Only thing is, Arizona lawmakers never repealed the old law after the Roe decision. In fact, they renumbered and recodified it in the 1970s, though it still wasn't enforceable.
But once Roe was overturned, then-Attorney General Mark Brnovich got Pima County Superior Court Judge Kellie Johnson to rule that the never-repealed territorial-era law could again be enforced even though lawmakers had since approved a 15-week ban. Johnson pointed out that, in enacting the more recent law, the Legislature spelled out it was not repealing the older law.
That decision was stayed by the Arizona Court of Appeals. But the Arizona Supreme Court, in its April 9 decision, voted 4-2 to say that Johnson was right.
That set off a scramble, first to repeal the old law -- what lawmakers did earlier this month -- and then to delay the court's order as long as possible to prevent a "blackout'' period during which abortions would come to a halt until the repeal becomes law.
That 90 day delay approved by the Supreme Court Monday, by itself, isn't enough: The Legislature remains in session, with no firm date to adjourn for the year.
But what does make a difference is a parallel challenge to the 1864 law, this one filed by the Arizona Medical Association and Dr. Paul Isaacson, who performs abortions.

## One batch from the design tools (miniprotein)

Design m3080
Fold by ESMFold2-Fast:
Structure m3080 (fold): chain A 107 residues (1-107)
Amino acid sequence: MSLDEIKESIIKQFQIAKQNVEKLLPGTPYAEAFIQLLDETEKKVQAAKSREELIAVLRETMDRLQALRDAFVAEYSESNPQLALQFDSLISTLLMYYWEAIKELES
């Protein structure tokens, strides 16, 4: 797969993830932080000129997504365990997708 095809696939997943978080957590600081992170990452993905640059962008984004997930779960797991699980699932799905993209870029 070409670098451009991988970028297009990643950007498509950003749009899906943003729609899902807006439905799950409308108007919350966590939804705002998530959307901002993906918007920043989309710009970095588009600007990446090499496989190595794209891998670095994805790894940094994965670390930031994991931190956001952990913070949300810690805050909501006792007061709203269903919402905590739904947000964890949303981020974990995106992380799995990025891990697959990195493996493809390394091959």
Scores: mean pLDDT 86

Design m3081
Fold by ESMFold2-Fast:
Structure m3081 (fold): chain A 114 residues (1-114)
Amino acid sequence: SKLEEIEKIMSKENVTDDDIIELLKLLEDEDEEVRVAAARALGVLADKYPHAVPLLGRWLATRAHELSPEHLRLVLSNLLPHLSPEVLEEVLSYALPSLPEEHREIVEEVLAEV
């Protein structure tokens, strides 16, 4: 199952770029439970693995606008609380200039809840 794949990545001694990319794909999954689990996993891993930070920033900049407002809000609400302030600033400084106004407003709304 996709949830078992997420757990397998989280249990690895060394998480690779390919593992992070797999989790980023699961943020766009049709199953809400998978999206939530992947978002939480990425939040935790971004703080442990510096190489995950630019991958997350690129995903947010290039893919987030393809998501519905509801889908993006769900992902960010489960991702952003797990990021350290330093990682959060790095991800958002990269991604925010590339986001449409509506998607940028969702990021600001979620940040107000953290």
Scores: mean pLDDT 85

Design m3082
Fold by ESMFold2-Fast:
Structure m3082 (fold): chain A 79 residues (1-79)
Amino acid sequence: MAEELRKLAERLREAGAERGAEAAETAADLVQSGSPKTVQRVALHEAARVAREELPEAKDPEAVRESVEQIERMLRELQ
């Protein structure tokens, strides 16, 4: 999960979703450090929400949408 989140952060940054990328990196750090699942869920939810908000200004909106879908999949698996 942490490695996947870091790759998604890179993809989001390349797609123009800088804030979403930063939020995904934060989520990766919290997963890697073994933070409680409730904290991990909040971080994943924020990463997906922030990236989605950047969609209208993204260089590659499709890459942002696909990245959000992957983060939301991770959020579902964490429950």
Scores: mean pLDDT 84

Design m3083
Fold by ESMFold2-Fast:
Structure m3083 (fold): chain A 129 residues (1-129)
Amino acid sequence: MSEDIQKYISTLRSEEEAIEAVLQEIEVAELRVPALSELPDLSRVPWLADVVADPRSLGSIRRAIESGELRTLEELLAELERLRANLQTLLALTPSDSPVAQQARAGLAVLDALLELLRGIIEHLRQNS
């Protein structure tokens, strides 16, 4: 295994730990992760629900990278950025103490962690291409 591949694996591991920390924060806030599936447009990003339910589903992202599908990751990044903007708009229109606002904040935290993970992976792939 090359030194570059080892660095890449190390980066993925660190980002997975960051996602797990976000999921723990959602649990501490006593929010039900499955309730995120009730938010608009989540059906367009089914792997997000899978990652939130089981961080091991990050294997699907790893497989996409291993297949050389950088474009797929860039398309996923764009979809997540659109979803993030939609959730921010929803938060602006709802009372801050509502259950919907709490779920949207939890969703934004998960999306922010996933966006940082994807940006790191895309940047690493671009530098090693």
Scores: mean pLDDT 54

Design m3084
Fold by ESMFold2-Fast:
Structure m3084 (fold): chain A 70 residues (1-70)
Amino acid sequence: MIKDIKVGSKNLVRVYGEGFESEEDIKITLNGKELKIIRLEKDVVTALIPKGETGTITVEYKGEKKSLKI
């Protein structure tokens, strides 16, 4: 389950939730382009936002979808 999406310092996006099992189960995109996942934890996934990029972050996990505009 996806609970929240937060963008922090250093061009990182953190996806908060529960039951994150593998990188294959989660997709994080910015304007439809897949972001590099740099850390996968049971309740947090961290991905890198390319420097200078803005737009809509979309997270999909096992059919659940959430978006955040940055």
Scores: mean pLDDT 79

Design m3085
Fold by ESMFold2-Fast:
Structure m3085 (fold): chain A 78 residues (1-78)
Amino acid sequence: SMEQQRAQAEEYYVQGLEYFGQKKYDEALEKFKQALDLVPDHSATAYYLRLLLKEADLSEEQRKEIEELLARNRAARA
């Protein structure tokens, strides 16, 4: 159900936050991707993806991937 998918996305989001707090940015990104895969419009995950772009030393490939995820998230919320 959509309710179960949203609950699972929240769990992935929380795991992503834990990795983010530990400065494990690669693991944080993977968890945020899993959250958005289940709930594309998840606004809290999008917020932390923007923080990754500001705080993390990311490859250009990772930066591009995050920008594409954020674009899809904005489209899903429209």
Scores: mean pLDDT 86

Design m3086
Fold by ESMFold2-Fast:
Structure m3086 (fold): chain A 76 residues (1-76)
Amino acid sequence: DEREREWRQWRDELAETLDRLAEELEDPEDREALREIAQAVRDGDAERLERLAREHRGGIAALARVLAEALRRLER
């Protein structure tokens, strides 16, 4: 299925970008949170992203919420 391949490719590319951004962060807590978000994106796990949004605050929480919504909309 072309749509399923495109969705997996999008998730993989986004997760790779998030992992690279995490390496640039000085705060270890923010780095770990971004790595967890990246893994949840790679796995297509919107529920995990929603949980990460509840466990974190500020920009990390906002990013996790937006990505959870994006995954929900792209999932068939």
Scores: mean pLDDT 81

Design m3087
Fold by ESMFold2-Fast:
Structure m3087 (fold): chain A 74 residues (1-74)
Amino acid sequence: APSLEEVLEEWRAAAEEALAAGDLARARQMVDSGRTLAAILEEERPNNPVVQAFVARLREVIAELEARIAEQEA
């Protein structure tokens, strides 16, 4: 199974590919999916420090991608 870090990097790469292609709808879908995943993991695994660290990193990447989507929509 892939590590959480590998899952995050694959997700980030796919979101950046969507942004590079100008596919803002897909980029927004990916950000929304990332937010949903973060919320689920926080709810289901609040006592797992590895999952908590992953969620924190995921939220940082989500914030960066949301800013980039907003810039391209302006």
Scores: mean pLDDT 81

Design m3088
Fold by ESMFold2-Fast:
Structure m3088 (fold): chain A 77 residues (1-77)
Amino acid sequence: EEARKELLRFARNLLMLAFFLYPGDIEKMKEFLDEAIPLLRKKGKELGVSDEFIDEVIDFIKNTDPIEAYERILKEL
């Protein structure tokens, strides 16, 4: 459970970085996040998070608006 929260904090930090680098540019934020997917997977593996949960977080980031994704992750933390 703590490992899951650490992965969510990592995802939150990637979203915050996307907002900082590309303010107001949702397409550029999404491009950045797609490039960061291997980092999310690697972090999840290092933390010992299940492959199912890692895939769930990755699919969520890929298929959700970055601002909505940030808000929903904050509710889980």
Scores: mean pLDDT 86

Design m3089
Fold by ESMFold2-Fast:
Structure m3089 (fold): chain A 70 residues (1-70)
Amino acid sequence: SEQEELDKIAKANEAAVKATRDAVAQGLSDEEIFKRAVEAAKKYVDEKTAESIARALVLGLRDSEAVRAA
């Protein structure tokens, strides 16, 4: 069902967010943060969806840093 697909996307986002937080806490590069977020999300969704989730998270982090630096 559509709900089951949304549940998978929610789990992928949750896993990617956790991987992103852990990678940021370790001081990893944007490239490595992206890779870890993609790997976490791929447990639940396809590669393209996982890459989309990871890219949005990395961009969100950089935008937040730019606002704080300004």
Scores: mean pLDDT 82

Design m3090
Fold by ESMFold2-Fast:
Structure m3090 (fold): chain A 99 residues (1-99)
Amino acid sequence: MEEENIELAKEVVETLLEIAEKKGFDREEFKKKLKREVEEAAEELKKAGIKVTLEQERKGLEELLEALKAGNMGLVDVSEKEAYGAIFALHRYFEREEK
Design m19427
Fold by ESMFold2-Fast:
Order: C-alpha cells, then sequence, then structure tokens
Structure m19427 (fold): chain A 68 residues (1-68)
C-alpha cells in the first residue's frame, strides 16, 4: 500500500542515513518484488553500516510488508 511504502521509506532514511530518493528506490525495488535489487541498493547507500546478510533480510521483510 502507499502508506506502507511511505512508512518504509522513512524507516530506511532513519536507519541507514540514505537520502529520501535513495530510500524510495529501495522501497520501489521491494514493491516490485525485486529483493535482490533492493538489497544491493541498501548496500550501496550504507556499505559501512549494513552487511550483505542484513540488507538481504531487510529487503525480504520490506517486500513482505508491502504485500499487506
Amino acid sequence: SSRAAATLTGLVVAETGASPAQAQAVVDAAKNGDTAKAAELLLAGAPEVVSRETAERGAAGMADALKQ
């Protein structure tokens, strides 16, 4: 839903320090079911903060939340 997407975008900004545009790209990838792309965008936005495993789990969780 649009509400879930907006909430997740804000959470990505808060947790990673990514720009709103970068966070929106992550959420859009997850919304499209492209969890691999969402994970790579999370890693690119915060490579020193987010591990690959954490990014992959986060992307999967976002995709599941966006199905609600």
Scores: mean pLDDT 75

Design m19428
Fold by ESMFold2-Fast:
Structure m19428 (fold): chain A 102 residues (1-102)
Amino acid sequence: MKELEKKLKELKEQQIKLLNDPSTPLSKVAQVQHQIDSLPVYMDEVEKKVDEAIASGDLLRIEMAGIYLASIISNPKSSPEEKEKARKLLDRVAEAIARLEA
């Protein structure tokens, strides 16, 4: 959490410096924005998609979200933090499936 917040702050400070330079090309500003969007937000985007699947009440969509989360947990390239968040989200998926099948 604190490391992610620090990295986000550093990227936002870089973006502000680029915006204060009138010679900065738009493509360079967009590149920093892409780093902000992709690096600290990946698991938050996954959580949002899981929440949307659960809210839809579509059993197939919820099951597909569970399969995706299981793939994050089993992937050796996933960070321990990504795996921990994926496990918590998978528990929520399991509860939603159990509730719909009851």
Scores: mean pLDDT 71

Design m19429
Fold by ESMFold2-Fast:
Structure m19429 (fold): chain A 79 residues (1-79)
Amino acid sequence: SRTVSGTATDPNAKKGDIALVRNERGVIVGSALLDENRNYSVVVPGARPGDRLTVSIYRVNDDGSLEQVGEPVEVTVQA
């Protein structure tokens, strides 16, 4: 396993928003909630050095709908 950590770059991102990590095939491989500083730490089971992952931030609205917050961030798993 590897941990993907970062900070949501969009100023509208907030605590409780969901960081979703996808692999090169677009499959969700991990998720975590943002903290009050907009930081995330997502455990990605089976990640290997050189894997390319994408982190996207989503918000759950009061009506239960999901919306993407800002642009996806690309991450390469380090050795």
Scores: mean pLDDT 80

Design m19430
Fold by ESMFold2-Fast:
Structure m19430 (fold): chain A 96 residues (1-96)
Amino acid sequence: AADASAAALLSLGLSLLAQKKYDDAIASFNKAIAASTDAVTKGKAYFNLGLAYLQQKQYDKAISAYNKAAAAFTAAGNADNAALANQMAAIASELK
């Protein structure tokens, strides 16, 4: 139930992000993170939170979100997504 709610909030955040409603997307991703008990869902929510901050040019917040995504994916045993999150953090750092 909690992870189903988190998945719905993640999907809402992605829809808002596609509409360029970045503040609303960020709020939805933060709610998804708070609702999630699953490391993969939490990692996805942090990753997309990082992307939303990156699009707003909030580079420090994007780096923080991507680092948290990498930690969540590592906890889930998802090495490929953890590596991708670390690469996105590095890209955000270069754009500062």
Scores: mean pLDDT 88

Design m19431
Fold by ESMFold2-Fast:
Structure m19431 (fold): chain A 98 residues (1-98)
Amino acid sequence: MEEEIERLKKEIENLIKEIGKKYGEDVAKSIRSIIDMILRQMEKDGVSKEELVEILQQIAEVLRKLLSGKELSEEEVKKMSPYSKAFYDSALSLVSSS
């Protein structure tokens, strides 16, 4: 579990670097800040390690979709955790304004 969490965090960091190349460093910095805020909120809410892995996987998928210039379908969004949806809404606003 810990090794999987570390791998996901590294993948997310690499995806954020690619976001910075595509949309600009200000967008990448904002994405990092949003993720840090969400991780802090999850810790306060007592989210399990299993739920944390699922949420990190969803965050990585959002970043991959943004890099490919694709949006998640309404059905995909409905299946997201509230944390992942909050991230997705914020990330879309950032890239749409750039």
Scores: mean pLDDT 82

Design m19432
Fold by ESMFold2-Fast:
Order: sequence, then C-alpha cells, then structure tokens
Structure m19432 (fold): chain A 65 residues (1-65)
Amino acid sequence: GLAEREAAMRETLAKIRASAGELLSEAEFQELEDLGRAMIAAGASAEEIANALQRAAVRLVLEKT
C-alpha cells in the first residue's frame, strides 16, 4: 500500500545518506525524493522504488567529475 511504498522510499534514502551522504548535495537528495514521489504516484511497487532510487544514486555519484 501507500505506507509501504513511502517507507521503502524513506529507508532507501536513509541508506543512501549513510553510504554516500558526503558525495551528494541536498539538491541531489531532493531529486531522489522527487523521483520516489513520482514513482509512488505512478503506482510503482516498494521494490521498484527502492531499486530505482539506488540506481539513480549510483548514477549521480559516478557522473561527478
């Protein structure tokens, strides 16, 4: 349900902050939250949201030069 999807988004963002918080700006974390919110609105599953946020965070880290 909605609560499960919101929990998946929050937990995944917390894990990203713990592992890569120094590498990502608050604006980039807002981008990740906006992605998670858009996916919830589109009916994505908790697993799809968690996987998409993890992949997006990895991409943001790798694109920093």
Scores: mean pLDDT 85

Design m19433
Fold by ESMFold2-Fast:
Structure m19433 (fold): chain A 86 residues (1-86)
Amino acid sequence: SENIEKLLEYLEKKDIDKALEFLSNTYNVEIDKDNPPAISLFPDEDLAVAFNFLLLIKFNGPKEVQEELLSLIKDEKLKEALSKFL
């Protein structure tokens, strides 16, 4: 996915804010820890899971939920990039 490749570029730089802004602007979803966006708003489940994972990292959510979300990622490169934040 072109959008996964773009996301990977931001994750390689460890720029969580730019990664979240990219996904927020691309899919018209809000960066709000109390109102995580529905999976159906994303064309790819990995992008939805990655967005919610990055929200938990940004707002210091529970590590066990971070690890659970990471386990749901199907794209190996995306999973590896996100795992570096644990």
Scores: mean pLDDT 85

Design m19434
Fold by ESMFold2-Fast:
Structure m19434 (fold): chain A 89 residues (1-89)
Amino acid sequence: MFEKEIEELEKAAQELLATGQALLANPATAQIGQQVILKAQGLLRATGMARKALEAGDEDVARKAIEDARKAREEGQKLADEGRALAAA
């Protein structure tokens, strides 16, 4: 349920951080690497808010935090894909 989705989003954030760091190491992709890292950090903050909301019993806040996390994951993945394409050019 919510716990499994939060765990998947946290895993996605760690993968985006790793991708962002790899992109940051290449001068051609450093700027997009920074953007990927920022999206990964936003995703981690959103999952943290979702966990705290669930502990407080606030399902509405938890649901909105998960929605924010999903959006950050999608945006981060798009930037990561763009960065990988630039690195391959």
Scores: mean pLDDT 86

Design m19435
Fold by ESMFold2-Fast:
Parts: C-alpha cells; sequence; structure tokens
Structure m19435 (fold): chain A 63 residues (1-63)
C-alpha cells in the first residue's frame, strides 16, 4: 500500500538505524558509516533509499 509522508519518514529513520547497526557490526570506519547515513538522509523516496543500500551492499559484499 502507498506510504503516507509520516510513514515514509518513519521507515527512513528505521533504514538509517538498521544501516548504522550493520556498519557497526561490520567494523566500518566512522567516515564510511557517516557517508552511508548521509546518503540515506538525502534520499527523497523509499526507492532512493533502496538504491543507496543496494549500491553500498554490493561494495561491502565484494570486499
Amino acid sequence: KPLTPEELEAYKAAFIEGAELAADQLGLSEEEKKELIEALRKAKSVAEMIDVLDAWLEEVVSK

Brnovich sought to place that case on ice. So he agreed that even if the state won its case against Planned Parenthood he would not begin enforcing the territorial-era law for at least 45 days after that Supreme Court ruling became effective.
That deal benefited Brnovich because it meant his attorneys would not have to simultaneously defend two separate lawsuit on the same issue. And since Brnovich acted on behalf of the state, that promise for an additional 45 days -- now on top of the extra 90 days given by the Supreme Court -- effectively bars any prosecution until late September.
And by then, the repeal approved by the Legislature could be effective.
On X and Threads: @azcapmedia